10. Slow down, savor the moment and get some fresh air
"I really love just sipping on some tea on my days off and enjoying the warmth and flavor compared to when I'm working and rushing through the process. Sometimes I get sick of the stale air that surrounds me at work (where I work on a level below the basement) and in my home, since it's too cold to open up the windows during winter. So when the sun is shining and it's not freezing out, I'll take a walk around the block to clear not only my lungs but my mind with no distractions, meaning I'm not on my phone or listening to music." —Kirti, 30
11. Start a new daily good-for-you habit.
"My biggest thing is to make time almost every day for yoga class. It's all about feeling supported by yourself and those around you, which can take some active attention and perspective shifting. One of my favorite poses is standing forward fold because it makes me feel like all of my tension is dripping out from the top of my head. I always take extra time in this pose when I'm feeling stressed. Making yoga a near-daily habit means it's something I can count on myself for. Everyday, I make it a question of when I'll fit it into my schedule, rather than if I will. A big part of what inspires me to stick with it is that going more frequently makes it easier. If I skip two days or more, the next class will be that much harder and I can feel that I don't accumulate the positive effects in the same way. Also, when my intention is to practice almost every day, it makes it okay to skip a day. I usually end up going to class four days a week, sometimes five. If I don't make it one day, I know I'll be back the next. So it's okay!" —Margaret, 27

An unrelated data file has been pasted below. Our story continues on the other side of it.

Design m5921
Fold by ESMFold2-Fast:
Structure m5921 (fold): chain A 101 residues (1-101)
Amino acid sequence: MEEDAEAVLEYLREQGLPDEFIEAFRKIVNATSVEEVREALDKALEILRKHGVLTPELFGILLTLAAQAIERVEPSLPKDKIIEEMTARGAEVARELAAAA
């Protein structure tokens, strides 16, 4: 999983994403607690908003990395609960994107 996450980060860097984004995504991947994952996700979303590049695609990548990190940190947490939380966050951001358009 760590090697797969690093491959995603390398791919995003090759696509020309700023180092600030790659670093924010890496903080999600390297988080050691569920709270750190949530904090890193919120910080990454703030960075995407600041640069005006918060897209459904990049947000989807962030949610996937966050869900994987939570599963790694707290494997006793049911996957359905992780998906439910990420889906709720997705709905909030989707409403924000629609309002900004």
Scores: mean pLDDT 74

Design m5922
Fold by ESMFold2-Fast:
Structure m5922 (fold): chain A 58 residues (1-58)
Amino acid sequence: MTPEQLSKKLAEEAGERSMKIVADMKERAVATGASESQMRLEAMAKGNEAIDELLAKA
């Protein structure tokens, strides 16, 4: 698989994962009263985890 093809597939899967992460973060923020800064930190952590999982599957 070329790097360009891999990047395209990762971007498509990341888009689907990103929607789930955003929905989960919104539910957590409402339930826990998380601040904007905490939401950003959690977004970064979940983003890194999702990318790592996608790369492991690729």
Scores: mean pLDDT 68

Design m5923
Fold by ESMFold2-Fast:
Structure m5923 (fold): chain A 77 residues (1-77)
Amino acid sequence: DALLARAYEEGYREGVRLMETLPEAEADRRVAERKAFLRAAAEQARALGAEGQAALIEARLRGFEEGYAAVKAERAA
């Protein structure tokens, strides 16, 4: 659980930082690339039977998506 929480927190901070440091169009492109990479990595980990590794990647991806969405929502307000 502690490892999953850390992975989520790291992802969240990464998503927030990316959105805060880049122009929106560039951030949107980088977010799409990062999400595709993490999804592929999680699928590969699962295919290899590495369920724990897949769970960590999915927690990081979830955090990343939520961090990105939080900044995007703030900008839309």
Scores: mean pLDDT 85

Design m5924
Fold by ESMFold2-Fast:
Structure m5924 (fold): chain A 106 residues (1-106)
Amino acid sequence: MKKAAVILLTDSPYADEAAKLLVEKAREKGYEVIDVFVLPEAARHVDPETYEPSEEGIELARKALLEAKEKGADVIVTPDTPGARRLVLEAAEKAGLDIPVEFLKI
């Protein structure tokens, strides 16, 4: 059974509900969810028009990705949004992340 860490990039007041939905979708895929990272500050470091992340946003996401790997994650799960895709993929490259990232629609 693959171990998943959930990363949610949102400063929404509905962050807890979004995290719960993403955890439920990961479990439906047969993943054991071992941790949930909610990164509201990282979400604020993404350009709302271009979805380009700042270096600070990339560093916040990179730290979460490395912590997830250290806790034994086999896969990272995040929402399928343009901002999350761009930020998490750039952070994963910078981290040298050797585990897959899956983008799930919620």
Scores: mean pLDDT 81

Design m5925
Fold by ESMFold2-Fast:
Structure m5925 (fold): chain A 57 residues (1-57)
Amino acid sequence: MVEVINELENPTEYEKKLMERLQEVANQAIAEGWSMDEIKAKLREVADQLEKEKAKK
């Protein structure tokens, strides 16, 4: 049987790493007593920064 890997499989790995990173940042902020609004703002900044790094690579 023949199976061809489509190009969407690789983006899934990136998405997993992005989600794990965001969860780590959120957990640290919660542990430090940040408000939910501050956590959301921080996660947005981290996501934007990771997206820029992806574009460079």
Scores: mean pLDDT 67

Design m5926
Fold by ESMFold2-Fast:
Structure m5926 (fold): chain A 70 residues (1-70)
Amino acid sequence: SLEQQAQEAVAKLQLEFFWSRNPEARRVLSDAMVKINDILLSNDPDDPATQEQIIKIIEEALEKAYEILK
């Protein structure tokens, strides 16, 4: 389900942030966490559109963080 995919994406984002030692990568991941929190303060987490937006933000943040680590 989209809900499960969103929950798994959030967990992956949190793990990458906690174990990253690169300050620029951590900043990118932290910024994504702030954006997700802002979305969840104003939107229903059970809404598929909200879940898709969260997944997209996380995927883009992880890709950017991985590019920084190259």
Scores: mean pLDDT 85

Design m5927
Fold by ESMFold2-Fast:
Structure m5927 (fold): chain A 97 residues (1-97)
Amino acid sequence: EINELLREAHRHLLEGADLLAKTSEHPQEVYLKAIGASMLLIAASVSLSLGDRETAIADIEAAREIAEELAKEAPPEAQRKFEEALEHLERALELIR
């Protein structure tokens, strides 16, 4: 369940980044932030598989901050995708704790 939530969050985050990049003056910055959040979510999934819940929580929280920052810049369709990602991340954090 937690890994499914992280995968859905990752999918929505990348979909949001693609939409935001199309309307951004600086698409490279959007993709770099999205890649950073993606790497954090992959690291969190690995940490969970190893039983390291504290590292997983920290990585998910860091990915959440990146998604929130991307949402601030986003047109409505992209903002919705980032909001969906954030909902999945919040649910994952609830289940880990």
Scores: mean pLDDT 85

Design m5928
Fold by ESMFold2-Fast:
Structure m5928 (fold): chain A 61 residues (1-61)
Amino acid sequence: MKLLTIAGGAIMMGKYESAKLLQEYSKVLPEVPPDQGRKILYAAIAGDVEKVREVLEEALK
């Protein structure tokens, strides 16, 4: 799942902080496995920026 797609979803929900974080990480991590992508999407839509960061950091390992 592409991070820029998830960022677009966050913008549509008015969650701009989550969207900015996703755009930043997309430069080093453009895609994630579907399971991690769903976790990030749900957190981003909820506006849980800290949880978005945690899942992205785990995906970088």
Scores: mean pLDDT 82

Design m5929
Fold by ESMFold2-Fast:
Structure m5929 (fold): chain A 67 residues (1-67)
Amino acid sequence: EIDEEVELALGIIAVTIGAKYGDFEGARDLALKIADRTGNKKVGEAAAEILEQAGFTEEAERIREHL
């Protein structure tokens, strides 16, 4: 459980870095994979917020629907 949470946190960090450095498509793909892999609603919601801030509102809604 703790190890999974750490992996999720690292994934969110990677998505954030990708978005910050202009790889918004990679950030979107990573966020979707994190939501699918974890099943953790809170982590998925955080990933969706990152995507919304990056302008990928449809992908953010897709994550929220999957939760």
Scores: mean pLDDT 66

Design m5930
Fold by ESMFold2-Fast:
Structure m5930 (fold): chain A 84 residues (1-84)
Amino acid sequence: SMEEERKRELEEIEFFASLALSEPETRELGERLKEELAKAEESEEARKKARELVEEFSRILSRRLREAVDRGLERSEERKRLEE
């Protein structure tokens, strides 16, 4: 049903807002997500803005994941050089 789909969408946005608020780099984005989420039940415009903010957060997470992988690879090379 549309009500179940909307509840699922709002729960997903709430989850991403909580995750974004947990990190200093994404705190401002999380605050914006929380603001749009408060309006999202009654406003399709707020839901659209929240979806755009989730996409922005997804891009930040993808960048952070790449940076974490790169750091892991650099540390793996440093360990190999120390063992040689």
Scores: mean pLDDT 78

Thank you to the amazing 11 women who contributed to this story. I hope that you, my dear readers, can take at least one new thing from this story to add to your "self-love" repertoire. You're worth it.
All my love, Heather xoxo
Photograph by Tom Schelling.